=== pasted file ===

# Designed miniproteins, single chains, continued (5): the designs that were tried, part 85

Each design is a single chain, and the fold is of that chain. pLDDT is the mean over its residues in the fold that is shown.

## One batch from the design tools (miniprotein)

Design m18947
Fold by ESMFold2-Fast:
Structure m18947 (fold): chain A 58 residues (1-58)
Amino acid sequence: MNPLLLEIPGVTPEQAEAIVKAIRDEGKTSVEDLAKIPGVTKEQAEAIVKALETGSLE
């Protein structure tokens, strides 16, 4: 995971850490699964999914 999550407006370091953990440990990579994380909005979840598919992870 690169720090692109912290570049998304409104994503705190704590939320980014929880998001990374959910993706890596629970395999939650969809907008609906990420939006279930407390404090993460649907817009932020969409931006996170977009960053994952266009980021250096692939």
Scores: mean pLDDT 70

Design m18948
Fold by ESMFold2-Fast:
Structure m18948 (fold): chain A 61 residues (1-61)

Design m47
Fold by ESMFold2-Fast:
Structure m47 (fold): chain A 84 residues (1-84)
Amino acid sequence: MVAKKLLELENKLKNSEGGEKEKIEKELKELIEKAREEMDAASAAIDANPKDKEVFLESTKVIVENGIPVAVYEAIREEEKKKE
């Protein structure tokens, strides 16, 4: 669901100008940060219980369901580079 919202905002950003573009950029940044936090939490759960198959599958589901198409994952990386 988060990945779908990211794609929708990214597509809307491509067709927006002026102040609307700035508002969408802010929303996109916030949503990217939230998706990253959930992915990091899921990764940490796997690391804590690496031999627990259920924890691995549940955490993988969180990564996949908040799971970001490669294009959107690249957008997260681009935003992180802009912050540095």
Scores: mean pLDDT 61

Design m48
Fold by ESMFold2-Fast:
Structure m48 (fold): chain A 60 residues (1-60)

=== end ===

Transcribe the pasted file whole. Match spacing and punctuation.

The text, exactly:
# Designed miniproteins, single chains, continued (5): the designs that were tried, part 85

Each design is a single chain, and the fold is of that chain. pLDDT is the mean over its residues in the fold that is shown.

## One batch from the design tools (miniprotein)

Design m18947
Fold by ESMFold2-Fast:
Structure m18947 (fold): chain A 58 residues (1-58)
Amino acid sequence: MNPLLLEIPGVTPEQAEAIVKAIRDEGKTSVEDLAKIPGVTKEQAEAIVKALETGSLE
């Protein structure tokens, strides 16, 4: 995971850490699964999914 999550407006370091953990440990990579994380909005979840598919992870 690169720090692109912290570049998304409104994503705190704590939320980014929880998001990374959910993706890596629970395999939650969809907008609906990420939006279930407390404090993460649907817009932020969409931006996170977009960053994952266009980021250096692939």
Scores: mean pLDDT 70

Design m18948
Fold by ESMFold2-Fast:
Structure m18948 (fold): chain A 61 residues (1-61)

Design m47
Fold by ESMFold2-Fast:
Structure m47 (fold): chain A 84 residues (1-84)
Amino acid sequence: MVAKKLLELENKLKNSEGGEKEKIEKELKELIEKAREEMDAASAAIDANPKDKEVFLESTKVIVENGIPVAVYEAIREEEKKKE
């Protein structure tokens, strides 16, 4: 669901100008940060219980369901580079 919202905002950003573009950029940044936090939490759960198959599958589901198409994952990386 988060990945779908990211794609929708990214597509809307491509067709927006002026102040609307700035508002969408802010929303996109916030949503990217939230998706990253959930992915990091899921990764940490796997690391804590690496031999627990259920924890691995549940955490993988969180990564996949908040799971970001490669294009959107690249957008997260681009935003992180802009912050540095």
Scores: mean pLDDT 61

Design m48
Fold by ESMFold2-Fast:
Structure m48 (fold): chain A 60 residues (1-60)